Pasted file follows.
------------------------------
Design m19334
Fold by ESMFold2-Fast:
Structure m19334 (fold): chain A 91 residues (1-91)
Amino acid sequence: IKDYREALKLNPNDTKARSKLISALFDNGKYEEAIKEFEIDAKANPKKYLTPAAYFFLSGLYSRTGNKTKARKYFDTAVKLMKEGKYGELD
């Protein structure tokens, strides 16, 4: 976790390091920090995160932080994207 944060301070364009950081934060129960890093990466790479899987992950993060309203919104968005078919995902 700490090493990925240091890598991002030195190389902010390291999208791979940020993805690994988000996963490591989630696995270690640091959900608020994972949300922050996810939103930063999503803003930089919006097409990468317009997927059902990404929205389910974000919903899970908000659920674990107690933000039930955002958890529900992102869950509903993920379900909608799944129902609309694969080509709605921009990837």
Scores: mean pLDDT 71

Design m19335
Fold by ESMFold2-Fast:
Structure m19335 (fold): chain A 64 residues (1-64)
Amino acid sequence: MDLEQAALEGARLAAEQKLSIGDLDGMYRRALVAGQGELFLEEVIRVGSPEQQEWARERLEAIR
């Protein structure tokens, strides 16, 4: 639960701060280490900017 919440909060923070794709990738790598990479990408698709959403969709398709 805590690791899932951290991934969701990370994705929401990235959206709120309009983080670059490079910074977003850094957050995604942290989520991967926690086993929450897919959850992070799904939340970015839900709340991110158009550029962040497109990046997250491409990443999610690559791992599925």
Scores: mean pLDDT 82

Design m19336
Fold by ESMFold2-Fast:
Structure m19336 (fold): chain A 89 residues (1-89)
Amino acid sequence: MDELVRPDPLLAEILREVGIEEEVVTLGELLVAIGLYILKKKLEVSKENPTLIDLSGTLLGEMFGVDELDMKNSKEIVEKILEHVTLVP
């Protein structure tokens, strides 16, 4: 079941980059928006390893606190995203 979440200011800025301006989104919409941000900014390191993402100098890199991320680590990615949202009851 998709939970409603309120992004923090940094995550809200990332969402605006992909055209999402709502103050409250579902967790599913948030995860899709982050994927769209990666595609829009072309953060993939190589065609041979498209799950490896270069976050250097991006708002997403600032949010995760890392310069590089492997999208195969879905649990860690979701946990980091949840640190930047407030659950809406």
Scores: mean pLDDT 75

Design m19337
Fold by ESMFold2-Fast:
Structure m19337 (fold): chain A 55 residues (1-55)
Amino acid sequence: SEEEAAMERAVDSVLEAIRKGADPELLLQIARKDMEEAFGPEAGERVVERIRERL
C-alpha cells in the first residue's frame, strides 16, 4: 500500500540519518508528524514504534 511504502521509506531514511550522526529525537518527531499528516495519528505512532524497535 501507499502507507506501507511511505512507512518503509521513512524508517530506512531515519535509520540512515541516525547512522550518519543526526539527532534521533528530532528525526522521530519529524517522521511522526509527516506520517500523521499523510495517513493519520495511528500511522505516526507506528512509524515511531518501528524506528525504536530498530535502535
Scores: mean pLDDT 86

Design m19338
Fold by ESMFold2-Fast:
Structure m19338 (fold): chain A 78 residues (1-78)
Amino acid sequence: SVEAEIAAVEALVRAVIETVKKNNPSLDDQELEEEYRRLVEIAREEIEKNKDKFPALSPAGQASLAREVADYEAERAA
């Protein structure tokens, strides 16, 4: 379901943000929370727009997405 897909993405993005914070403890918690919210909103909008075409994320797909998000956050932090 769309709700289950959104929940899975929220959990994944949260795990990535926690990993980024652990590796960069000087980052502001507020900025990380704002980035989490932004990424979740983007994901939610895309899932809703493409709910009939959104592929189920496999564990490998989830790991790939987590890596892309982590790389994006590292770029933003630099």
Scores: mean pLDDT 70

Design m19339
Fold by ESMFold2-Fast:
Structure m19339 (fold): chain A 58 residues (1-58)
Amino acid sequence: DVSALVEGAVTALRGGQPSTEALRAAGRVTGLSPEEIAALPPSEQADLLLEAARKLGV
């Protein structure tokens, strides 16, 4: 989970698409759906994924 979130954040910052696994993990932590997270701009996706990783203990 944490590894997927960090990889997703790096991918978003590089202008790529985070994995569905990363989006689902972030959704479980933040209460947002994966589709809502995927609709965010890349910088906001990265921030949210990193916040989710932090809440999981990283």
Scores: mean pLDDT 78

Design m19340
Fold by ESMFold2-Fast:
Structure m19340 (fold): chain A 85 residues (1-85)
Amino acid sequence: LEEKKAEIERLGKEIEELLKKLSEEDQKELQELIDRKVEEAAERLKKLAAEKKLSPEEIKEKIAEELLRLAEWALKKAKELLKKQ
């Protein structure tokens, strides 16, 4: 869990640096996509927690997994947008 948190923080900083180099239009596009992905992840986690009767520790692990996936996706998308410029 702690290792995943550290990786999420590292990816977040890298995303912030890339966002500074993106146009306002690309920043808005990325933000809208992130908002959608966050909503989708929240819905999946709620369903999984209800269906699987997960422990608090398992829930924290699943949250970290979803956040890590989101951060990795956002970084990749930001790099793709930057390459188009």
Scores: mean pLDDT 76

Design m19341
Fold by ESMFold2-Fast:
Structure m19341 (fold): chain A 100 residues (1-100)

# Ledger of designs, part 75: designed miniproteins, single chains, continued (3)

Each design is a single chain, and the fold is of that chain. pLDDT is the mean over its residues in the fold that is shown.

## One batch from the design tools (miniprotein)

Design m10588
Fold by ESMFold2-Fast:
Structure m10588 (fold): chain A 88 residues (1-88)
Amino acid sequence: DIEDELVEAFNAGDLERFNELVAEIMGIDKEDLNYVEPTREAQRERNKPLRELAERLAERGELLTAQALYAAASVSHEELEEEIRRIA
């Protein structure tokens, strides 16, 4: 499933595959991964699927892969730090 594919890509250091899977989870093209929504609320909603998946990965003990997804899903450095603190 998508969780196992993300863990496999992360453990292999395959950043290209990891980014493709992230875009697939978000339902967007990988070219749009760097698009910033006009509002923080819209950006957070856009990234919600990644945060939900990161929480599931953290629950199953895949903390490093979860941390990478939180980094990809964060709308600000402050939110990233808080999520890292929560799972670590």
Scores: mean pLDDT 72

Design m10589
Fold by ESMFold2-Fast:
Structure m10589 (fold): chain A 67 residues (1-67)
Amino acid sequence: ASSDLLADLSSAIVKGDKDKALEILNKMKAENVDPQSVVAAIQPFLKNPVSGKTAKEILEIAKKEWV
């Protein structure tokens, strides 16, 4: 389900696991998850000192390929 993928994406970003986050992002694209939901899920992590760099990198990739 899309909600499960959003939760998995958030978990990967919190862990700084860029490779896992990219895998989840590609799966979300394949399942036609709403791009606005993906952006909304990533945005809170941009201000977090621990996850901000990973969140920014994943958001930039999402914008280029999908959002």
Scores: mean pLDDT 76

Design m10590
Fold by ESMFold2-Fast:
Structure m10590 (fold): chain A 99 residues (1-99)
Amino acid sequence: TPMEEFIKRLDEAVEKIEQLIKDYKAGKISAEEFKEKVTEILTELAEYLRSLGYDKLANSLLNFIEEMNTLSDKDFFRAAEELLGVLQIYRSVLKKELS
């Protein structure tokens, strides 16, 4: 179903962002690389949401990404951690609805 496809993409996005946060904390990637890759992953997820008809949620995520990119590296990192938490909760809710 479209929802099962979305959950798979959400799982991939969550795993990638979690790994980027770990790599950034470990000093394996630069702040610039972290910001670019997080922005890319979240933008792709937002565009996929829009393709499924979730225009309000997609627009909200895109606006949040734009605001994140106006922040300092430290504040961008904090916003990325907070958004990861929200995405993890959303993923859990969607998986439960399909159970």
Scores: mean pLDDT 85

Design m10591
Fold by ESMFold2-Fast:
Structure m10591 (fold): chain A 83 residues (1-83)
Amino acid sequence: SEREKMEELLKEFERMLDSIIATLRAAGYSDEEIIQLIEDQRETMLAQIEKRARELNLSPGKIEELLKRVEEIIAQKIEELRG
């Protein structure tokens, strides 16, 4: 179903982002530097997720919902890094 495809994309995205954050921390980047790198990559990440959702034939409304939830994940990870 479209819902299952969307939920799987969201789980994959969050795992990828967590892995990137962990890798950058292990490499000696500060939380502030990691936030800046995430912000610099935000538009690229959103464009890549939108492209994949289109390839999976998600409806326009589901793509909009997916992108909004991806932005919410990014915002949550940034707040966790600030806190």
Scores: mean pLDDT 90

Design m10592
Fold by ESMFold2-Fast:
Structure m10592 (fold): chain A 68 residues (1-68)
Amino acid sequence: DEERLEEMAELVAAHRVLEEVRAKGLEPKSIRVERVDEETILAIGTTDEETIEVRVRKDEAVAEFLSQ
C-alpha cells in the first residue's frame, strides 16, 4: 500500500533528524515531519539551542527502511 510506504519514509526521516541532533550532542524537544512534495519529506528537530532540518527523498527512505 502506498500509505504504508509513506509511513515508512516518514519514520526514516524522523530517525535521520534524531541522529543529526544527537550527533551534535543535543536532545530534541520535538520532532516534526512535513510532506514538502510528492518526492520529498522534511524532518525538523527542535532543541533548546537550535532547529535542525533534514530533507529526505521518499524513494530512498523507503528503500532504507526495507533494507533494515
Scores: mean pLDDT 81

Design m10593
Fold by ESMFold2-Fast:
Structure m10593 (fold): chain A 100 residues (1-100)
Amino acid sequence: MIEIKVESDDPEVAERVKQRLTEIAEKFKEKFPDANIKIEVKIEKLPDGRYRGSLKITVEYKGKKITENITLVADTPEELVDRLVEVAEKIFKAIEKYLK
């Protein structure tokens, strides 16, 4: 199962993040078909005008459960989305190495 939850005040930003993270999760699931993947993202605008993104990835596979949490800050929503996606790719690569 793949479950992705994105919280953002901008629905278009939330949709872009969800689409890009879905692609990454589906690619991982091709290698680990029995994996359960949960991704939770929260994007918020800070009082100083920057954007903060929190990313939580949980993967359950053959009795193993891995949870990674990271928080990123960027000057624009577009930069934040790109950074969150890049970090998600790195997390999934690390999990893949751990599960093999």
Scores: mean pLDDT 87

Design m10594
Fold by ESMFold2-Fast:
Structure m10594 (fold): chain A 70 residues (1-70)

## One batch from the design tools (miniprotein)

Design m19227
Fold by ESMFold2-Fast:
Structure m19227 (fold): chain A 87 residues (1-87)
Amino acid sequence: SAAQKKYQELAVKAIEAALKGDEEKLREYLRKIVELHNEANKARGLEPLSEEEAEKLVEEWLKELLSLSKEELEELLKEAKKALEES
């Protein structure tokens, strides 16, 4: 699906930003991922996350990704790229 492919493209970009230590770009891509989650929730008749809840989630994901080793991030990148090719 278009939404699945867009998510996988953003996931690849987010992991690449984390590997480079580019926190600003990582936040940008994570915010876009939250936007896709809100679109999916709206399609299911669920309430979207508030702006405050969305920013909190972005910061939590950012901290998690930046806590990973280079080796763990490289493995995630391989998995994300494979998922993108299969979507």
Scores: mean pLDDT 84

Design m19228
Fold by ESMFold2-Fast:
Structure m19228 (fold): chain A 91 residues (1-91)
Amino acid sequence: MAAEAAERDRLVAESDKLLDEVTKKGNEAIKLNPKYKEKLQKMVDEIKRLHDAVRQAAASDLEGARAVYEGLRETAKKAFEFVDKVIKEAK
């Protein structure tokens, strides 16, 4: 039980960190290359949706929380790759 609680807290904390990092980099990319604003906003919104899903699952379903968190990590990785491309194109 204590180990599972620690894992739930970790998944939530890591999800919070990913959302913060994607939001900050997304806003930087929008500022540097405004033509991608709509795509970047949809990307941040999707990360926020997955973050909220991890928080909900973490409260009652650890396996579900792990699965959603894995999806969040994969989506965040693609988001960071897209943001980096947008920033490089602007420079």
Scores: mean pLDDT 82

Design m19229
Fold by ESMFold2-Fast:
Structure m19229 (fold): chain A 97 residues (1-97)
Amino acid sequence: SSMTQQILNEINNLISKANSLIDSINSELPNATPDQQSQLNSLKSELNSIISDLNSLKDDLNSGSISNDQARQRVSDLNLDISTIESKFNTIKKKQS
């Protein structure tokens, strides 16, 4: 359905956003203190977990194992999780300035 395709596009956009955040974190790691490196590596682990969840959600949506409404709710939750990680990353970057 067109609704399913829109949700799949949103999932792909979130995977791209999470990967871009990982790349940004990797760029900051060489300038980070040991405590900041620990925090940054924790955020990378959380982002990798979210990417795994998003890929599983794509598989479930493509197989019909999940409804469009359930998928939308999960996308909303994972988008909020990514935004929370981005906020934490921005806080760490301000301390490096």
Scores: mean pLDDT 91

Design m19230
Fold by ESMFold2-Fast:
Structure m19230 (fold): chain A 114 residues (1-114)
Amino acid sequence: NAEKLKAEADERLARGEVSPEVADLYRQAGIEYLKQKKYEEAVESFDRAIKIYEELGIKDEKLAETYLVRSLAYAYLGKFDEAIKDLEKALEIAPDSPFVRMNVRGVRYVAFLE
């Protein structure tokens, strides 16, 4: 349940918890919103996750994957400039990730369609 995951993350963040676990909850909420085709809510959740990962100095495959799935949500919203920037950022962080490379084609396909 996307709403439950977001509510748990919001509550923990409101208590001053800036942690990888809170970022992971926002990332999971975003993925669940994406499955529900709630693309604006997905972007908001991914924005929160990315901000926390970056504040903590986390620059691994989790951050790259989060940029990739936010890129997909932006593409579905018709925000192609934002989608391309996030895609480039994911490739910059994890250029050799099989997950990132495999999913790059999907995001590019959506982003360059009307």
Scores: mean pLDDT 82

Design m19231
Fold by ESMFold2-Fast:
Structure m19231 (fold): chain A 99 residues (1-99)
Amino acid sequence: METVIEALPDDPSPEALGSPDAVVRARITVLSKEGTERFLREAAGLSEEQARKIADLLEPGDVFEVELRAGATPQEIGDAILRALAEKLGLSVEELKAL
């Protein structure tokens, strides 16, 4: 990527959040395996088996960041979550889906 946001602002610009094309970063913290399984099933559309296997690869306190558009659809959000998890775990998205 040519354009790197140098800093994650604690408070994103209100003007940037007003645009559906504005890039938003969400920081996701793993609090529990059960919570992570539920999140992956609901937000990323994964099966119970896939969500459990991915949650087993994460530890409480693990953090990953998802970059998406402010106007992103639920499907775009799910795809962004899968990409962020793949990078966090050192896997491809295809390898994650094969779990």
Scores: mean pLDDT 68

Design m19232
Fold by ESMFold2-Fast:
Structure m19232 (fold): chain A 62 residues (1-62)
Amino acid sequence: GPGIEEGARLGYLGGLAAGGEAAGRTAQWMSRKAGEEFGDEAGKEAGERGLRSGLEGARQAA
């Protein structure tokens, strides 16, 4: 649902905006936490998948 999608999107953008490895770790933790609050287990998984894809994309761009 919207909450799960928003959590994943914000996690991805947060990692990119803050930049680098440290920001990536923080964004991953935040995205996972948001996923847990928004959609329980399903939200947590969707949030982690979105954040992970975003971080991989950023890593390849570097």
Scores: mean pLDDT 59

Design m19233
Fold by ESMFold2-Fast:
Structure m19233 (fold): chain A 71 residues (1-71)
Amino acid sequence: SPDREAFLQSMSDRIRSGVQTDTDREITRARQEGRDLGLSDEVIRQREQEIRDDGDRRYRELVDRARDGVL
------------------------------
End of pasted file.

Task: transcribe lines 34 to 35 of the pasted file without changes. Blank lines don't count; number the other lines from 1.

Amino acid sequence: DVSALVEGAVTALRGGQPSTEALRAAGRVTGLSPEEIAALPPSEQADLLLEAARKLGV
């Protein structure tokens, strides 16, 4: 989970698409759906994924 979130954040910052696994993990932590997270701009996706990783203990 944490590894997927960090990889997703790096991918978003590089202008790529985070994995569905990363989006689902972030959704479980933040209460947002994966589709809502995927609709965010890349910088906001990265921030949210990193916040989710932090809440999981990283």